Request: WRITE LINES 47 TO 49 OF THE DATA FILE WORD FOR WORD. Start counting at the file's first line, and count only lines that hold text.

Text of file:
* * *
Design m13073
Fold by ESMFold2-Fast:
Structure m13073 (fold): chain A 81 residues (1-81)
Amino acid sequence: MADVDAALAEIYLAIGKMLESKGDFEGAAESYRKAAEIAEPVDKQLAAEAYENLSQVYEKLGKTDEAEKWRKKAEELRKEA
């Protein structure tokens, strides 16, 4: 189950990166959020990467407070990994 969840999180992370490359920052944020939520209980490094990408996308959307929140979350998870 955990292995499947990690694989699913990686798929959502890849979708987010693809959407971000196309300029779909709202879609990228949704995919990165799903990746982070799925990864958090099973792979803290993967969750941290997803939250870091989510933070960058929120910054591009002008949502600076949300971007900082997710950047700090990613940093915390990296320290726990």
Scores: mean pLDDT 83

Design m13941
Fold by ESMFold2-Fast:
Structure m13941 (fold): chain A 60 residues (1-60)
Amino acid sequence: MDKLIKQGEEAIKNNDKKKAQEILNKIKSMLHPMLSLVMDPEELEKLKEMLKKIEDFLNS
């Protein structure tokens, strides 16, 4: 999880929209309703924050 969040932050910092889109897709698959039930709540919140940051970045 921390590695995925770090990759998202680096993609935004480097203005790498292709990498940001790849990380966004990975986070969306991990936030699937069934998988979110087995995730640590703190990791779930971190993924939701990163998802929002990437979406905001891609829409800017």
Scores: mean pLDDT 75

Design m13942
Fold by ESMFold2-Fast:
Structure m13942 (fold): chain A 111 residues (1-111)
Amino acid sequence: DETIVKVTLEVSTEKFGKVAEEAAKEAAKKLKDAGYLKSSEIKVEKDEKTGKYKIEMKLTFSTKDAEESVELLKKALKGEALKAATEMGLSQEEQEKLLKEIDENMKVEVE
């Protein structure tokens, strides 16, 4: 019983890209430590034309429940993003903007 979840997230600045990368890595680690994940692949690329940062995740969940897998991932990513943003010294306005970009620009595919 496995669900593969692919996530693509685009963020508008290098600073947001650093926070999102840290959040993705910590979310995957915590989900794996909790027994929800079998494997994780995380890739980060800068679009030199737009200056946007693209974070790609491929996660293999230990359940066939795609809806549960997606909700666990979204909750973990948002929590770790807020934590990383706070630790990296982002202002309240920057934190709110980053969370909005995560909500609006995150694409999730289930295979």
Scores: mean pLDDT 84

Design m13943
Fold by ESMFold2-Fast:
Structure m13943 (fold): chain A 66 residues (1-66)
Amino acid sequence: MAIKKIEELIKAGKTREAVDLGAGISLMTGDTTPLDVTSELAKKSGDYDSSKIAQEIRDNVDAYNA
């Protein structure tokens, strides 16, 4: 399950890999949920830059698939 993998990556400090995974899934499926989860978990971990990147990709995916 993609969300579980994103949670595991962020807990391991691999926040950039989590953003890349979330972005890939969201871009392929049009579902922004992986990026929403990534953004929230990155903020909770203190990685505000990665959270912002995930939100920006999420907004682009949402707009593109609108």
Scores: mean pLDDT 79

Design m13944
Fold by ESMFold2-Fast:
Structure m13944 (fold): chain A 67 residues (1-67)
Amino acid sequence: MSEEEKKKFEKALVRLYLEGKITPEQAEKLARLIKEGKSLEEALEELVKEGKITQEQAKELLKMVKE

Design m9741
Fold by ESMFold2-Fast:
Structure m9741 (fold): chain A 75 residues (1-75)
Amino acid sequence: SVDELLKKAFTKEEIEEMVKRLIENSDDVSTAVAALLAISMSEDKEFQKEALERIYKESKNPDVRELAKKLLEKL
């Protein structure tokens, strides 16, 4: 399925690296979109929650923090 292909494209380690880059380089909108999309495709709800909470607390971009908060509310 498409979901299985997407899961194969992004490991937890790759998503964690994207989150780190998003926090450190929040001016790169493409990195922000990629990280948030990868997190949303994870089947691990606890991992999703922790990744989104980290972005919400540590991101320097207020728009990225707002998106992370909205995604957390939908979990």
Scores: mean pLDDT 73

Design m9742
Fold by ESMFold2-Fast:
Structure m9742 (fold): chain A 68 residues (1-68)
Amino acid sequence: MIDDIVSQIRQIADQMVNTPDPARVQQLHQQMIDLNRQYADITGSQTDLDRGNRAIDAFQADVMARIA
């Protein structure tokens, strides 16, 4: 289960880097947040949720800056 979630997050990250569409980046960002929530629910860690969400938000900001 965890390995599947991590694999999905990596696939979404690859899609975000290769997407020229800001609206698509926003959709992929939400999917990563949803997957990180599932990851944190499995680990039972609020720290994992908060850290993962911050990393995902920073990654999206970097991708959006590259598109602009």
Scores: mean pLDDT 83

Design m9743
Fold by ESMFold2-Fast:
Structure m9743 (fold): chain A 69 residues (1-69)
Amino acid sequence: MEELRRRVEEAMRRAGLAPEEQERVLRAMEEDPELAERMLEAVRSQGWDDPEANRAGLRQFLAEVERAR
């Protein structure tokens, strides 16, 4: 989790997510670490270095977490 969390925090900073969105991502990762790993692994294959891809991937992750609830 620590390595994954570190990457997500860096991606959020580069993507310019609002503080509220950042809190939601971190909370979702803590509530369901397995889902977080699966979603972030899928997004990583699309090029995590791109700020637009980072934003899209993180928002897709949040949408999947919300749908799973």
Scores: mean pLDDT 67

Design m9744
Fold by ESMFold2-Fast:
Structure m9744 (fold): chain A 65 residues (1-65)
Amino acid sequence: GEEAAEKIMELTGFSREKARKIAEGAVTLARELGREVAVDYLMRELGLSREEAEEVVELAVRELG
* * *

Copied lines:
Design m9744
Fold by ESMFold2-Fast:
Structure m9744 (fold): chain A 65 residues (1-65)